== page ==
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Compensation for wrongfully convicted prisoners focus of new AIC paper

Media Release

21 May 2008

Wrongfully convicted people may not be consistently compensated by Australian jurisdictions, according to a new research paper released today from the Australian Institute of Criminology (AIC).

The paper, Compensation for wrongful conviction, is the latest in the AIC's Trends & issues in criminal justice series and examines the causes and effects of wrongful imprisonment, the prevalence of wrongful conviction, and the applicability of international approaches and conventions.

"There is no reliable data on the prevalence of wrongful convictions. In the United States it has been estimated that between 0.5 and five percent of prisoners have been wrongfully convicted, while in the United Kingdom it has suggested that the rate of wrongful conviction may be as high as 0.1 percent of all criminal cases," said Dr Judy Putt, General Manager of Research at the AIC. "Causes vary and may be due to such factors as false confession or eyewitness error. The impact of wrongful conviction and subsequent imprisonment can be severe, including substantial psychiatric and emotional effects."

In all Australian states and territories (except the Australian Capital Territory) individuals wrongfully convicted and imprisoned do not have a common law or statutory right to compensation. Instead, state or territory governments may choose to make an ex gratia payment either of its own accord or as a result of a request by a party for such a payment.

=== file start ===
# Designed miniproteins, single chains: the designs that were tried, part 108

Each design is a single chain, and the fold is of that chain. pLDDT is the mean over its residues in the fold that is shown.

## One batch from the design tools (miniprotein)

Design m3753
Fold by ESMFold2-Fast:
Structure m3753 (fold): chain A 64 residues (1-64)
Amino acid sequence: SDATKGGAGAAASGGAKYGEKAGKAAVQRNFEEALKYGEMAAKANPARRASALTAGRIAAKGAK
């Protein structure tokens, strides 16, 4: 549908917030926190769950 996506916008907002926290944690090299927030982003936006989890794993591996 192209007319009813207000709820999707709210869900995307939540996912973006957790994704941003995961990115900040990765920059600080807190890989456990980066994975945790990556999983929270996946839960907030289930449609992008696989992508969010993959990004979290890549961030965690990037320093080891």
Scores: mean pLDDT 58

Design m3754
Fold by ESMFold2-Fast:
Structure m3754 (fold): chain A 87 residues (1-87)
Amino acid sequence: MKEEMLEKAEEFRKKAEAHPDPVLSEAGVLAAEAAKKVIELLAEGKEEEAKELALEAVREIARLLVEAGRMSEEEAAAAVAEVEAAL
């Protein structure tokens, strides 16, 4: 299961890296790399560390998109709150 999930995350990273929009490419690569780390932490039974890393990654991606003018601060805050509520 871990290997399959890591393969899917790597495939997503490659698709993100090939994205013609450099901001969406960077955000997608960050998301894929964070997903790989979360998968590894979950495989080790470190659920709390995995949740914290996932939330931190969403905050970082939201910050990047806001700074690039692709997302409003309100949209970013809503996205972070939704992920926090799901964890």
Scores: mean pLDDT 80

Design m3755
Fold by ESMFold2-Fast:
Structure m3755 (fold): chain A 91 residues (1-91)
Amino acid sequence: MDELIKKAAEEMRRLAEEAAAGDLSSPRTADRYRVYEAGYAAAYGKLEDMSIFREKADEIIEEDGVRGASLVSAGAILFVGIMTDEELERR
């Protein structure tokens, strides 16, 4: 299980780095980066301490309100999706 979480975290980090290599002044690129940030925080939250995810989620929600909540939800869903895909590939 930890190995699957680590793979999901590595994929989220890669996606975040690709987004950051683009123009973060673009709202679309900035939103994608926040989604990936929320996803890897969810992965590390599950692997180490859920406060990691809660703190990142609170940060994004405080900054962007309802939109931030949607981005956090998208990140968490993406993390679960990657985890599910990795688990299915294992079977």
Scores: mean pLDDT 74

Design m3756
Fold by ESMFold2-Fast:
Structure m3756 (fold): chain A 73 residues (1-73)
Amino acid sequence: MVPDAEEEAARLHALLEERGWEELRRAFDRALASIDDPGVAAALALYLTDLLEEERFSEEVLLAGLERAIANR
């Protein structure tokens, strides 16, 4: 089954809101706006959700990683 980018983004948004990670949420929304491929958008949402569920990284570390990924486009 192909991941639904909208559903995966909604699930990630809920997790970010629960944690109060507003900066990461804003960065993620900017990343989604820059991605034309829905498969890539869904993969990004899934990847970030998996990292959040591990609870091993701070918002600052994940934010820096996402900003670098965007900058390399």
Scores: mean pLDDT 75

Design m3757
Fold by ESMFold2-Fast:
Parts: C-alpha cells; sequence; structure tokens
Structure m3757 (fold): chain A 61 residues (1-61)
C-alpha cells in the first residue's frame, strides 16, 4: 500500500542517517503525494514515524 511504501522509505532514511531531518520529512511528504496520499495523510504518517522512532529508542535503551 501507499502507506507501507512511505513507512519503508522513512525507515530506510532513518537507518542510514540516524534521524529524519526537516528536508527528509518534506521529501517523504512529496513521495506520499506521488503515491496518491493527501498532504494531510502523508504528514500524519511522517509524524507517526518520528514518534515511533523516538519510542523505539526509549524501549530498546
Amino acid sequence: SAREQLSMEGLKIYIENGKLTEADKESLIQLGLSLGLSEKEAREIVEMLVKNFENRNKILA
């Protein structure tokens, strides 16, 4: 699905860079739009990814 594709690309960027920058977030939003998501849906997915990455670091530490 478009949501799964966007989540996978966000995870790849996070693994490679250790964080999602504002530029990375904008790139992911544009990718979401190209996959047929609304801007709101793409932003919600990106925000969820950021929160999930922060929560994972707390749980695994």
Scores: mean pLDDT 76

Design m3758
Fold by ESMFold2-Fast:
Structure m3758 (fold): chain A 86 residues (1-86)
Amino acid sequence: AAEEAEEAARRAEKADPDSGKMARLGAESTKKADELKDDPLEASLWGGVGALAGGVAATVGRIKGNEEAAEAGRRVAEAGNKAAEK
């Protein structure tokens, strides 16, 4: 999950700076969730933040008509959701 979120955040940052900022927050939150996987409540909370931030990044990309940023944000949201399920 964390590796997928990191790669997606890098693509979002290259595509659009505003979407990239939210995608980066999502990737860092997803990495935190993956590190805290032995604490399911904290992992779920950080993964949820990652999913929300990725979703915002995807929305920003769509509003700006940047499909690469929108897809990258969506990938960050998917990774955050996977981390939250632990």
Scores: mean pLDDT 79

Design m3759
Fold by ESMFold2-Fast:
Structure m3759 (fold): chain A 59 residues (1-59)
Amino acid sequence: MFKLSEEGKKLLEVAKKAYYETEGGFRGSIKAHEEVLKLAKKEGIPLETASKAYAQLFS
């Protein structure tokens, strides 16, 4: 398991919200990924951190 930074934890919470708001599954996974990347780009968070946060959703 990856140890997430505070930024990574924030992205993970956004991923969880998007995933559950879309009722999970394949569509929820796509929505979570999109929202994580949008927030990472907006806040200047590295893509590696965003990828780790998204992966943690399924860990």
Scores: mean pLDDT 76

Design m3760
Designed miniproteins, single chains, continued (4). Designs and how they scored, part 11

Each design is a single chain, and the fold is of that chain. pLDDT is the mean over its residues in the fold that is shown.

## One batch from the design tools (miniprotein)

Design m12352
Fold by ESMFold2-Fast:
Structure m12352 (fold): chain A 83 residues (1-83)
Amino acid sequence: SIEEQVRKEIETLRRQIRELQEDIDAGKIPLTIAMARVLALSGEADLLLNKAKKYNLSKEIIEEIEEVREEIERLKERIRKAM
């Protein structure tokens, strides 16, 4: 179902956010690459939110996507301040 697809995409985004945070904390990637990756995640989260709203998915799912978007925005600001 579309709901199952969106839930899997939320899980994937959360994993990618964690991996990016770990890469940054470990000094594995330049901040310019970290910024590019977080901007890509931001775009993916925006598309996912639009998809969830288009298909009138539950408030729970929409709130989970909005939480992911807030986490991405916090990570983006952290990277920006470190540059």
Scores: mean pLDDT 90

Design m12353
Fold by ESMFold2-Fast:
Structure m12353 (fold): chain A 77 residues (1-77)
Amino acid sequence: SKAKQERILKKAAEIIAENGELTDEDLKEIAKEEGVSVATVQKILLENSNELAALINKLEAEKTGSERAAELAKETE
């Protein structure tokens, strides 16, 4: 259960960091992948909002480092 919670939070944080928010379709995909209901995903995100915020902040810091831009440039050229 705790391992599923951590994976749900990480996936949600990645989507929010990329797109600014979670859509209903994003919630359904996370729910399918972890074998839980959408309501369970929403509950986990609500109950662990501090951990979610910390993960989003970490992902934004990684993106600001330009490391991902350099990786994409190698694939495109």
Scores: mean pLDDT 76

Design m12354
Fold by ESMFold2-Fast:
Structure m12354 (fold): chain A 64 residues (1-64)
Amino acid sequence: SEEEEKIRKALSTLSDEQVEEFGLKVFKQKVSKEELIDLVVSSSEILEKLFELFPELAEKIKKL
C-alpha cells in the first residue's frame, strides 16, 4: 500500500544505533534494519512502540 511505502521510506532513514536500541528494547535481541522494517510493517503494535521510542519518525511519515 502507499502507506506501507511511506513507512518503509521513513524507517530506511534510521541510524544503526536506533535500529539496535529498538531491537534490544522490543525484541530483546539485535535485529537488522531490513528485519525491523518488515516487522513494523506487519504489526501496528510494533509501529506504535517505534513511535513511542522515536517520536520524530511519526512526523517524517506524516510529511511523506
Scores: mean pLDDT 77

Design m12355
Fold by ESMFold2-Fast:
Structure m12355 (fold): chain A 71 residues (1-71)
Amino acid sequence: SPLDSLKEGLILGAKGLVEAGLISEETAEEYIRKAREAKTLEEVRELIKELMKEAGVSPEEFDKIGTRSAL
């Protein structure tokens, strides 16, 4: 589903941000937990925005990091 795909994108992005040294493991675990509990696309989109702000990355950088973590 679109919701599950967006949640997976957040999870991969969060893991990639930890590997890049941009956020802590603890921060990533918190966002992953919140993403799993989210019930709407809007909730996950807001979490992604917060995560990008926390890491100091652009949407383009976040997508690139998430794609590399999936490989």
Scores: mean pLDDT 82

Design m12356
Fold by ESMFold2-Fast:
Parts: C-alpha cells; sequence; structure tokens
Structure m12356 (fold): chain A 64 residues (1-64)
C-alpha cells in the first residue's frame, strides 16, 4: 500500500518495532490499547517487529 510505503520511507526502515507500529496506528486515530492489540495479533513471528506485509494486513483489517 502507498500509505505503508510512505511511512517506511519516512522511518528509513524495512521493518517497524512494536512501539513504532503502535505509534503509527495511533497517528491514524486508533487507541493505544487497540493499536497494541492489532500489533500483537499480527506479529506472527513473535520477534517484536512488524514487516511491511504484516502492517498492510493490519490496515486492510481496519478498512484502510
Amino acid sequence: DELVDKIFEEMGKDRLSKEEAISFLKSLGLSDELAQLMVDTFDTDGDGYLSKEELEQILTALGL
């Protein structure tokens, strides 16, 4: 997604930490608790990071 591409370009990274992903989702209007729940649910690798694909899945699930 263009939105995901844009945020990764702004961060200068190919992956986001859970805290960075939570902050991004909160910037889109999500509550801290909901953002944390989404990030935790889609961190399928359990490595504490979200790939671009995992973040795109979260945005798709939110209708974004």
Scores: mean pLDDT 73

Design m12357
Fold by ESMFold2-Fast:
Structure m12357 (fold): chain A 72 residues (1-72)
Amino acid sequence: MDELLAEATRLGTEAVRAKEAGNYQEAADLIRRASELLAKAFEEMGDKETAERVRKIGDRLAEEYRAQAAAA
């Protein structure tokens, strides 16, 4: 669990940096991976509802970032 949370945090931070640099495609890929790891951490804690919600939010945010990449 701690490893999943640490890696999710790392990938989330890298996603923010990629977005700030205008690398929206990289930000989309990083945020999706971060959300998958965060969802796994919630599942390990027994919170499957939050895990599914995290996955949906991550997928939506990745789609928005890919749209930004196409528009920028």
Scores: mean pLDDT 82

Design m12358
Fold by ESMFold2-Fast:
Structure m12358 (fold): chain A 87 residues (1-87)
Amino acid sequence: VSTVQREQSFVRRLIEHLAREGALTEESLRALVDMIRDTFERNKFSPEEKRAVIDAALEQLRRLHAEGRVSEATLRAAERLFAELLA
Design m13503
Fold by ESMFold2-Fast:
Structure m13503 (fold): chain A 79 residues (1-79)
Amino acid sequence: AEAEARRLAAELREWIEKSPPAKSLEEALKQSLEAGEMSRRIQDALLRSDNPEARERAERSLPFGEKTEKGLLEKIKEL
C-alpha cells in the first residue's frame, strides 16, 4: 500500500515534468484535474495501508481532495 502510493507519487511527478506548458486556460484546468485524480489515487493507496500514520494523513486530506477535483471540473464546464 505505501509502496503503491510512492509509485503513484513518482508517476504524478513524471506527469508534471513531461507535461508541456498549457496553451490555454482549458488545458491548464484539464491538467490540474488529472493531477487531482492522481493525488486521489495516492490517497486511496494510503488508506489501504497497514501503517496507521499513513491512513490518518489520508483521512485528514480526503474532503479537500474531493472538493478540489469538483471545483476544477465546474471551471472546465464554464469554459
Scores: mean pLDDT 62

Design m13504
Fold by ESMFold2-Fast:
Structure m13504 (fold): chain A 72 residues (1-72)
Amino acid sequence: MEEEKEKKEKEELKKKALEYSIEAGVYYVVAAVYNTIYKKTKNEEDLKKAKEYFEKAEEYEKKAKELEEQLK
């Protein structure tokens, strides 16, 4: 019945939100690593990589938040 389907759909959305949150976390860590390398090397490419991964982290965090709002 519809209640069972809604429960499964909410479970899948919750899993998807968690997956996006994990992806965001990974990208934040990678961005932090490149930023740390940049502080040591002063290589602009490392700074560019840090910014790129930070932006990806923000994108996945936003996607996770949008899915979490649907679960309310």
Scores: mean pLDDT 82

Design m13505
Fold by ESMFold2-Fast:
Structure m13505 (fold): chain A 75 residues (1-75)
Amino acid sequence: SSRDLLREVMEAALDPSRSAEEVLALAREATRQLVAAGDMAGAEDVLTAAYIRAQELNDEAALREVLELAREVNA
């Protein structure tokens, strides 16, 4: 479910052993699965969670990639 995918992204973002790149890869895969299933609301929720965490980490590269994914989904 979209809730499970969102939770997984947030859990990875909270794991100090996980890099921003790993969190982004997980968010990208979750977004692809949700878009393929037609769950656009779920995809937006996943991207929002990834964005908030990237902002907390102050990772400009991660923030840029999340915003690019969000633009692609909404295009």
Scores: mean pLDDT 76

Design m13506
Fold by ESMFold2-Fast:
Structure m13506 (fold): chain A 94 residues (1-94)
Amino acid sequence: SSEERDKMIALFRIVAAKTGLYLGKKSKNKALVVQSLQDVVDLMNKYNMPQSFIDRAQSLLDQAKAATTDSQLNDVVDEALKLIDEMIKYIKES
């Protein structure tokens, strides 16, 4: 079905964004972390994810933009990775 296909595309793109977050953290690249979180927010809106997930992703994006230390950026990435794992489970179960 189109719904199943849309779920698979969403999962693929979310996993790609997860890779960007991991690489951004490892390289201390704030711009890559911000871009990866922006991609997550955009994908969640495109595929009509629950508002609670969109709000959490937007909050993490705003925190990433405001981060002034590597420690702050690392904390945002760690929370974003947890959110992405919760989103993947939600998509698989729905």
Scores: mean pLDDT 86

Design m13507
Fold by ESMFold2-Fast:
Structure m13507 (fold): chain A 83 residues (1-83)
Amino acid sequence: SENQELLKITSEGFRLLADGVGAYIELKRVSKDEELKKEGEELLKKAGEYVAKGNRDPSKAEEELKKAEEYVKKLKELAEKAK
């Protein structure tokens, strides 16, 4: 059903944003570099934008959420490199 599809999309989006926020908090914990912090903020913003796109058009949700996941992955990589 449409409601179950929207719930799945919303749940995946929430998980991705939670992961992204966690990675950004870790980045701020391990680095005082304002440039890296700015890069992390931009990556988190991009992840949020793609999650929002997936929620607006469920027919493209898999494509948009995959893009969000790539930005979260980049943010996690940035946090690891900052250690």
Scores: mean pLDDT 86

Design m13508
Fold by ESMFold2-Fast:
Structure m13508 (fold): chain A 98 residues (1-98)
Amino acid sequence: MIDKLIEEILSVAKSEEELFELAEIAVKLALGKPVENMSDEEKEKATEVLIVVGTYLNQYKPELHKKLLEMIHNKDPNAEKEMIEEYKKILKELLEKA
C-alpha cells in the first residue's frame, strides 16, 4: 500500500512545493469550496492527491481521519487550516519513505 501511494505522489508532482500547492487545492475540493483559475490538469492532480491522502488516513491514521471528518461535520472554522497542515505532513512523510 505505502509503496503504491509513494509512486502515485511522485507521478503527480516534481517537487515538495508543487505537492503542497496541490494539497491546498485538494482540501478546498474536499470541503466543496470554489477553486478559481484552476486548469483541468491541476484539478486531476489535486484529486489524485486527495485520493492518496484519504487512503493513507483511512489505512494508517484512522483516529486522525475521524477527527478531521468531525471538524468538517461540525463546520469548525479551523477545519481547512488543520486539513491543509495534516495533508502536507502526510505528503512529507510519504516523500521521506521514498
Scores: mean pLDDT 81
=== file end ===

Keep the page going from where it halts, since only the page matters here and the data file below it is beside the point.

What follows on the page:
According to the paper, this arrangement lacks transparency and compensation payments are somewhat arbitrary in terms of when compensation will be offered and how it will be quantified. Factors that seem to influence the amount of compensation paid include duration of imprisonment or evidence of official negligence, whilst the presence of prior criminality may reduce the chance and/or size of payment.

"The research paper suggests that it would be preferable for each Australian state and territory to enact legal provision for compensation for wrongful conviction, or draft specific guidelines for the award of compensation to wrongfully convicted people," Dr Putt said. "This would bring Australia into line with human rights best practice and give some consistency and transparency to the process of awarding compensation for wrongful conviction."

AIC media contact: Barbara Walsh, Tel: 02.6260 9244; m: 0409 985 600